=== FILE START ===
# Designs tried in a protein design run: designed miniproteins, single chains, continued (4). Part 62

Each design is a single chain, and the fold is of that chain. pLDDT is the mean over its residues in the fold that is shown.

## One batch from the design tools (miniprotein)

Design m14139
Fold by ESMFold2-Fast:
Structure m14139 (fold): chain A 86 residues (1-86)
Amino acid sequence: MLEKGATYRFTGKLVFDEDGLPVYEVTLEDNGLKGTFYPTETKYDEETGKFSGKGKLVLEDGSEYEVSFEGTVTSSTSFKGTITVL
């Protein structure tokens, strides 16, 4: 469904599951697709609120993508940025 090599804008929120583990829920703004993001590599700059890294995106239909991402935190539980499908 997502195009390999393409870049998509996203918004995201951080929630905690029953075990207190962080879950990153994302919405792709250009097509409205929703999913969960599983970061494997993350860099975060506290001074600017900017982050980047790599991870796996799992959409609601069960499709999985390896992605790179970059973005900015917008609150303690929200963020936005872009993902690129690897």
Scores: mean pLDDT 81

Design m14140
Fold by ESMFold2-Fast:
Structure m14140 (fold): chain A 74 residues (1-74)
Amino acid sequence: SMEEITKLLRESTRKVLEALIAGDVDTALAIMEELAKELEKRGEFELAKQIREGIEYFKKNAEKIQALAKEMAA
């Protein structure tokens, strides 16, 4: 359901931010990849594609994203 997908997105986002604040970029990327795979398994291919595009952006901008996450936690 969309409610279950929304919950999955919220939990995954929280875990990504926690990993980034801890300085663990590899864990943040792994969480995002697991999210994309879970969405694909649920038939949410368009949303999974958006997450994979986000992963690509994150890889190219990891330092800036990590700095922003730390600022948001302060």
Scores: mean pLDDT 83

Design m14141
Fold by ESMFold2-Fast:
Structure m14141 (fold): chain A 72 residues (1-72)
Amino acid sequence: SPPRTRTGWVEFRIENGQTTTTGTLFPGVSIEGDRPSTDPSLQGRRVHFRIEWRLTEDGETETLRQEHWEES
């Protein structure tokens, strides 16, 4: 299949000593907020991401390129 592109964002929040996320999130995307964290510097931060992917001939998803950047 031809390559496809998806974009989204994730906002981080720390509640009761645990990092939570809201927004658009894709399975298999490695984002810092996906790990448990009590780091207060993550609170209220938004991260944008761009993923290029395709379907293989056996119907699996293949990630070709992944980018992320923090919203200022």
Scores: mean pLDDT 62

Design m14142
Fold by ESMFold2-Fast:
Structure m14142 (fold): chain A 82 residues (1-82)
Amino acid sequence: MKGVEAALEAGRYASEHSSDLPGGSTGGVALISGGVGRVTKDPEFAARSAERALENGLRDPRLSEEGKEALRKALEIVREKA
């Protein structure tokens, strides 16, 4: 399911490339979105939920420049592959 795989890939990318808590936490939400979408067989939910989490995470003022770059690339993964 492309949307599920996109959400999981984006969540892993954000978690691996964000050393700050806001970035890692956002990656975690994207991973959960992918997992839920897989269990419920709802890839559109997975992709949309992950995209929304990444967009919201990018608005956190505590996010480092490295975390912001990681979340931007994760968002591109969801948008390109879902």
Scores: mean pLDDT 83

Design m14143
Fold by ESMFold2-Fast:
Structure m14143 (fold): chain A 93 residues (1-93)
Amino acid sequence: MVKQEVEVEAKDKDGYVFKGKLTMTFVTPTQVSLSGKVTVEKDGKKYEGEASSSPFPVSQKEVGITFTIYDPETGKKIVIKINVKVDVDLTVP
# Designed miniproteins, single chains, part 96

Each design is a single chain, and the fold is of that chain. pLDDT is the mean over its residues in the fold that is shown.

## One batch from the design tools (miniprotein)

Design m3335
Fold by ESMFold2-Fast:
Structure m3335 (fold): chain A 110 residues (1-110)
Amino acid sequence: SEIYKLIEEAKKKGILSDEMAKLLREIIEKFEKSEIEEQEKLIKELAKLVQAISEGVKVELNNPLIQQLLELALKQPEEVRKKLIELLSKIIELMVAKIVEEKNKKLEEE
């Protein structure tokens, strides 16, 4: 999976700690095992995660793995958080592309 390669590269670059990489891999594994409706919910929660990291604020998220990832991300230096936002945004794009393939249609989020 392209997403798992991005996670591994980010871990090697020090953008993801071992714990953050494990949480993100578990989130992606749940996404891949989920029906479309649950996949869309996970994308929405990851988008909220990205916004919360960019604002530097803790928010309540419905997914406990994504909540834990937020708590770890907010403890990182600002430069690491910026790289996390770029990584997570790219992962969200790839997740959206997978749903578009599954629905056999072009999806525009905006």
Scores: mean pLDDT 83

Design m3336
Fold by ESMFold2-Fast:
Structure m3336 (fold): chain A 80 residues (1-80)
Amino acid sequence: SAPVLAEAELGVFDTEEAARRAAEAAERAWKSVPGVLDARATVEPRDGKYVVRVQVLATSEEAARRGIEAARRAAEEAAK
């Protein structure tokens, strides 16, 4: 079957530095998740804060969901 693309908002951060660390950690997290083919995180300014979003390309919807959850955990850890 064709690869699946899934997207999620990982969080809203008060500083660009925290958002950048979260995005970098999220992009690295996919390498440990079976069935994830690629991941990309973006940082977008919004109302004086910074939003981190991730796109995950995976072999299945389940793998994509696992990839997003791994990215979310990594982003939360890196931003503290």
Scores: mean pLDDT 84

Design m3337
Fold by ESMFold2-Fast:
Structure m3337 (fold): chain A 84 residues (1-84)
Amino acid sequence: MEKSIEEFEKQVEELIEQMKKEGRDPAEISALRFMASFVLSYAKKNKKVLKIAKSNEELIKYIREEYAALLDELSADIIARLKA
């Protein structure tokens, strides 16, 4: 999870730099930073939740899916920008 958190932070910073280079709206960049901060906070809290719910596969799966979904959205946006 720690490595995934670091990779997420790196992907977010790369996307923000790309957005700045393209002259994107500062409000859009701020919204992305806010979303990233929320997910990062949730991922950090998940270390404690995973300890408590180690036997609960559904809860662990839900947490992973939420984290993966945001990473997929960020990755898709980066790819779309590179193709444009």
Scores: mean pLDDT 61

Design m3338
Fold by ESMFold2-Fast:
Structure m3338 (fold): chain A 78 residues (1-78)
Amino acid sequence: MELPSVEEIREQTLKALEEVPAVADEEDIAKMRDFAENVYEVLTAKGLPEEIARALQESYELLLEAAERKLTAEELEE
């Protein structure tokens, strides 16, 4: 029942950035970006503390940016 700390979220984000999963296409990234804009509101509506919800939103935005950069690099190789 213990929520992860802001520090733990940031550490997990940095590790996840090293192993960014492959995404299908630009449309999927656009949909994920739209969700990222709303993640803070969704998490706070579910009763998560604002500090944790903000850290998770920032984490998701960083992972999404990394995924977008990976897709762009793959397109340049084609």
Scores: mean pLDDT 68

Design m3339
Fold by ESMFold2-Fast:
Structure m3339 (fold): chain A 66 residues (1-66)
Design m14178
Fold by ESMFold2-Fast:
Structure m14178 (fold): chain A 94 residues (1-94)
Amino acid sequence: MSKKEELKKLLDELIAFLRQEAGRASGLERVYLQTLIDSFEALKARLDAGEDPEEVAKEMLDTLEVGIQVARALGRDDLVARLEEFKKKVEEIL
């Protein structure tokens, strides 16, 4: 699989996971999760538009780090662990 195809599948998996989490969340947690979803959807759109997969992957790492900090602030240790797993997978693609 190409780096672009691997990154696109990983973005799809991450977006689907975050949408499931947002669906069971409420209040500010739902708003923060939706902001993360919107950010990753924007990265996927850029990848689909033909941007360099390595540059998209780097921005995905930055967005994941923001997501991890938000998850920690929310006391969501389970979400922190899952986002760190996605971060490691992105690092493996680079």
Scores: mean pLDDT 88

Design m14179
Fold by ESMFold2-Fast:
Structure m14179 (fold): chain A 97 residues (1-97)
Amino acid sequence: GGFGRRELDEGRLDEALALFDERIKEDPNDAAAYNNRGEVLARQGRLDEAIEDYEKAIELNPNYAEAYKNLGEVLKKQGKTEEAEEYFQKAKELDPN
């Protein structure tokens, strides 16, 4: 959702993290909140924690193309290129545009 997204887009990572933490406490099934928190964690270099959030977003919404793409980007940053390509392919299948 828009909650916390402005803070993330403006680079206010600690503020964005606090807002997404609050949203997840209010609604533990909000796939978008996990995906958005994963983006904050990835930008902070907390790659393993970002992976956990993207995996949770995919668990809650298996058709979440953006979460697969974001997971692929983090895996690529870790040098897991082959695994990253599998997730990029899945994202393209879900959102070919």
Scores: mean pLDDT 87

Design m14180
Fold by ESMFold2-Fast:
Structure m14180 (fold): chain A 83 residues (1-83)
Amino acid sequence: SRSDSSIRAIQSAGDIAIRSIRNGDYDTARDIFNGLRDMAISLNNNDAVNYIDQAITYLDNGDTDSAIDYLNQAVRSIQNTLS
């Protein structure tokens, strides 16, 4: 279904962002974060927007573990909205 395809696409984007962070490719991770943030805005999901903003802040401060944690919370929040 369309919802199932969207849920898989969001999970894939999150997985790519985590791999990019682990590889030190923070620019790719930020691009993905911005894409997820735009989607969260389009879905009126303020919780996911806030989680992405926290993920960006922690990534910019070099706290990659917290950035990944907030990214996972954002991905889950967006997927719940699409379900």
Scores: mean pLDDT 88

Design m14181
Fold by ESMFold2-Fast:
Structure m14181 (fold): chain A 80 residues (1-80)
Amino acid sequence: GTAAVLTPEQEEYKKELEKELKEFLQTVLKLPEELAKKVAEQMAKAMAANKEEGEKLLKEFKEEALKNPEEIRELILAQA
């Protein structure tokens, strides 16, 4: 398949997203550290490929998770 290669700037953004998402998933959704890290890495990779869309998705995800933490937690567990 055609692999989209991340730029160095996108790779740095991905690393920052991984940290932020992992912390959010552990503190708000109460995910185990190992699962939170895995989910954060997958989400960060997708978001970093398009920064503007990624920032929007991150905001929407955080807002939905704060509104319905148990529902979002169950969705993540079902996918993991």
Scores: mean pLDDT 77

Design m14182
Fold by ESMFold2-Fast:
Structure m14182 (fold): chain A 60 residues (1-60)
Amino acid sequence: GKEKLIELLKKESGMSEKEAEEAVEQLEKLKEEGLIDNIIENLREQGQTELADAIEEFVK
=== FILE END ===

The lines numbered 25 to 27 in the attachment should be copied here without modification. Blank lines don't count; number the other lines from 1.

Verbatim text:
Amino acid sequence: MKGVEAALEAGRYASEHSSDLPGGSTGGVALISGGVGRVTKDPEFAARSAERALENGLRDPRLSEEGKEALRKALEIVREKA
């Protein structure tokens, strides 16, 4: 399911490339979105939920420049592959 795989890939990318808590936490939400979408067989939910989490995470003022770059690339993964 492309949307599920996109959400999981984006969540892993954000978690691996964000050393700050806001970035890692956002990656975690994207991973959960992918997992839920897989269990419920709802890839559109997975992709949309992950995209929304990444967009919201990018608005956190505590996010480092490295975390912001990681979340931007994760968002591109969801948008390109879902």
Scores: mean pLDDT 83